Online Sales, Online Feedback, Defamation and Sanctions

Eugene Volokh reports on an interesting case, Med Express Inc. v. Nicholls, Case No. 13-CIV-0351 (Ohio Comm. Pl.).  The action was filed by an online vendor who received negative feedback on Ebay from a purchaser. The plaintiff, Med Express Inc., sued for defamation and demanded both injunctive relief and monetary damages.  Although claim of defamation (unlike some related torts) requires that the allegations made against the plaintiff be false, the complaint did not include falsity in its recitation of the facts. Med Express lost their application for a temporary restraining order.  The defendant has counterclaimed for sanctions under Ohio statute and common law principles related to frivolous litigation practices, and is likely to prevail.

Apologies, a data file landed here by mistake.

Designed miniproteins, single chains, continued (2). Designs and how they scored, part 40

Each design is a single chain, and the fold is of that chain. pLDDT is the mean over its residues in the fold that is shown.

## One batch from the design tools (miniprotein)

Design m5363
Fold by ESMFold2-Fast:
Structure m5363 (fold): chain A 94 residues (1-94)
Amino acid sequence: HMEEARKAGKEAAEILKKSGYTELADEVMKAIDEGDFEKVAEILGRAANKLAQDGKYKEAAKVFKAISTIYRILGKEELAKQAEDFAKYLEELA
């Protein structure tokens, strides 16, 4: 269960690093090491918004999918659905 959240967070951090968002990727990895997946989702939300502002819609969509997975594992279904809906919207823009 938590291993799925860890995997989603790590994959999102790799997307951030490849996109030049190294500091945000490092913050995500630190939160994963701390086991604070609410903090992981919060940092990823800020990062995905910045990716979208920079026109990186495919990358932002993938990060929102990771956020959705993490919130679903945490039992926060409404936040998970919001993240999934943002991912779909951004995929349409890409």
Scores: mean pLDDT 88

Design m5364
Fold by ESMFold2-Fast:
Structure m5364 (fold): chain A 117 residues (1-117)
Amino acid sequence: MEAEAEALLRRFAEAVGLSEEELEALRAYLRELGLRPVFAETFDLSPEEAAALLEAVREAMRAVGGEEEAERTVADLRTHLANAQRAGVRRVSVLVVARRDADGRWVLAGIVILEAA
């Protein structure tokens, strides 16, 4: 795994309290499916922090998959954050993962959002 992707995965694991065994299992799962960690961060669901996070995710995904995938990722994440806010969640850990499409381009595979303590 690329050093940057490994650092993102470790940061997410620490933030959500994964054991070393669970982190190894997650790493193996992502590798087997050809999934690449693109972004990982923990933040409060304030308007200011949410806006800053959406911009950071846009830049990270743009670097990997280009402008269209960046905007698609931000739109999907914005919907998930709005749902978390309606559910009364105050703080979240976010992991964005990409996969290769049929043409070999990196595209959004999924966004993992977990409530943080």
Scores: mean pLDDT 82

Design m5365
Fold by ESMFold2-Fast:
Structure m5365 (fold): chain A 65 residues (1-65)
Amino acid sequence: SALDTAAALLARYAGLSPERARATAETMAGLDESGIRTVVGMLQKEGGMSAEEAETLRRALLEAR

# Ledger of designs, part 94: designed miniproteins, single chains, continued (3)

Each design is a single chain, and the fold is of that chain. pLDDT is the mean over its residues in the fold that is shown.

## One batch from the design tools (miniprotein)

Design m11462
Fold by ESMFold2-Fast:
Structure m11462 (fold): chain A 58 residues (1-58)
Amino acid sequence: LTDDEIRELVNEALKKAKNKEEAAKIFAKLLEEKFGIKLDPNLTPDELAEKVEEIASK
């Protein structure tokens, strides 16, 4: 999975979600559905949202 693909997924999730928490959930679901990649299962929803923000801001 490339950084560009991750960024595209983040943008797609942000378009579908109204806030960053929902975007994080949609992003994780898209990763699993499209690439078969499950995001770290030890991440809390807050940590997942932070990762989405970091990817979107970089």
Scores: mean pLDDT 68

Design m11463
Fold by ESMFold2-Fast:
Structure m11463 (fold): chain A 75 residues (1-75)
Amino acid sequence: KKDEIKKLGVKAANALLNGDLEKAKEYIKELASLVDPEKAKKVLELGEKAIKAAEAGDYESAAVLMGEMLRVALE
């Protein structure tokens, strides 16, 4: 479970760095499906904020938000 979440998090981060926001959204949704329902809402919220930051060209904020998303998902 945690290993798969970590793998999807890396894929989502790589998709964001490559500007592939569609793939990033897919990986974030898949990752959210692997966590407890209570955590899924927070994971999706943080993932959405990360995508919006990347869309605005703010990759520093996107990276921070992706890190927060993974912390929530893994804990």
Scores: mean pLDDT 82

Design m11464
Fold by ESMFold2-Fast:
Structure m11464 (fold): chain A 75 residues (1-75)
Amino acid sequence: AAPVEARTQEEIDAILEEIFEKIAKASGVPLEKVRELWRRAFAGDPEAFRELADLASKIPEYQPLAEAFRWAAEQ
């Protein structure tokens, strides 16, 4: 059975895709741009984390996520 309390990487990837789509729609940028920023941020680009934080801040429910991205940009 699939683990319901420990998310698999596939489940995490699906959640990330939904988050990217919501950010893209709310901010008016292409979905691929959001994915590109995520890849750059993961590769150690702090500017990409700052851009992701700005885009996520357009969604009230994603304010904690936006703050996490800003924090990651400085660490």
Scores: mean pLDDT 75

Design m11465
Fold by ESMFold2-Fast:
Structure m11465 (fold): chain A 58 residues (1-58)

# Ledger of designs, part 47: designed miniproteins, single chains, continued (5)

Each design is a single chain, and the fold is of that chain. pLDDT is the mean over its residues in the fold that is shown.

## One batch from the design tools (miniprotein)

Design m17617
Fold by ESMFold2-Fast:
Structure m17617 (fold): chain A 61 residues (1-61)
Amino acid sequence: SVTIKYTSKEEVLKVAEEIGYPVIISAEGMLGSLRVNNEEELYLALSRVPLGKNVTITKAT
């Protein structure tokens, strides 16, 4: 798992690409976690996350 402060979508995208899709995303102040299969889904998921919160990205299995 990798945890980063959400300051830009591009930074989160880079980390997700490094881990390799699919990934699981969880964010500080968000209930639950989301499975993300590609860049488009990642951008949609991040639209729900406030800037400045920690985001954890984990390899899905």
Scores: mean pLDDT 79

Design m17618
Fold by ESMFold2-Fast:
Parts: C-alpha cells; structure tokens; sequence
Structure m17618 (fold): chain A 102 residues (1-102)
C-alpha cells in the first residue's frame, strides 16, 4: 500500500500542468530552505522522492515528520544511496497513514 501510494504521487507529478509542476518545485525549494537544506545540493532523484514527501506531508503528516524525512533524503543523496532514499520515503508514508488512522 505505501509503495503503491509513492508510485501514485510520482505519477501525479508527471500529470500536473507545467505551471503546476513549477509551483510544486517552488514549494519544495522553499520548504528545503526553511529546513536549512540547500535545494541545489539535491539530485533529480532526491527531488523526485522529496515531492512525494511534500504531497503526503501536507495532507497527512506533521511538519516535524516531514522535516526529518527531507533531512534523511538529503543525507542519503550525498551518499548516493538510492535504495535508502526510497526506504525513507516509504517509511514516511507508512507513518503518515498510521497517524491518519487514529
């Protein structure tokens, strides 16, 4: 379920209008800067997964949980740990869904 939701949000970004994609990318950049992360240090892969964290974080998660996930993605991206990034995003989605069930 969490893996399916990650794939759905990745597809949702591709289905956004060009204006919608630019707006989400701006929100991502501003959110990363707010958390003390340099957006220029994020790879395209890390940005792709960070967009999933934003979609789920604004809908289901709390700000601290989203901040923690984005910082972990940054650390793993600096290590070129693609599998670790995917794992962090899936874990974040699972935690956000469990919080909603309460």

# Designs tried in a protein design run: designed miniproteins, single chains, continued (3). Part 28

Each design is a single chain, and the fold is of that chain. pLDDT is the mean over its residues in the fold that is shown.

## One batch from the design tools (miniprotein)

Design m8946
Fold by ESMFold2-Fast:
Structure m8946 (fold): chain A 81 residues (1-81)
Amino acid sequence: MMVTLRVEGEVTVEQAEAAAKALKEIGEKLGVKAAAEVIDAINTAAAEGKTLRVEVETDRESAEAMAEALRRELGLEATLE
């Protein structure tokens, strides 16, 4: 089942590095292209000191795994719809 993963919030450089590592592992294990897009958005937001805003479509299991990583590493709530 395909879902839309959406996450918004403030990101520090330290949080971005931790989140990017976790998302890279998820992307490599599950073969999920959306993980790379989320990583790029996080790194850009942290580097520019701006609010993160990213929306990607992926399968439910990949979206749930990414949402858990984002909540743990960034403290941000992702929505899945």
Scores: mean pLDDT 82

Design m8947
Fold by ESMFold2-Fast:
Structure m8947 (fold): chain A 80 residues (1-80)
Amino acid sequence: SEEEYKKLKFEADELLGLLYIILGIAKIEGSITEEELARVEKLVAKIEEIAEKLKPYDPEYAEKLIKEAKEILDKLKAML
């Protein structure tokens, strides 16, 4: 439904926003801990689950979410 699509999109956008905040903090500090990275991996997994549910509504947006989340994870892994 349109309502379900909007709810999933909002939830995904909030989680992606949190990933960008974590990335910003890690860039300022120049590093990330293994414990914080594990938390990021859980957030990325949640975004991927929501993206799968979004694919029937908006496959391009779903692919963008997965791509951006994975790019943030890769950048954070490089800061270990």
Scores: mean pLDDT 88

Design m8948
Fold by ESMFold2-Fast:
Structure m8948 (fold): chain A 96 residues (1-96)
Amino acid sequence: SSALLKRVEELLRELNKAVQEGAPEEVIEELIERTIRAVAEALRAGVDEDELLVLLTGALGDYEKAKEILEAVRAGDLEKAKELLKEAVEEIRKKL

Relevant documents may be viewed here.  This case provides a cautionary tale to online vendors.  Although online feedback forms are of critical importance in their ability to maintain their business, defamation claims are not an appropriate avenue of relief where the allegations underlying those claims are, in fact, true, and plaintiffs making such claims open themselves up to potential court sanctions and other liability.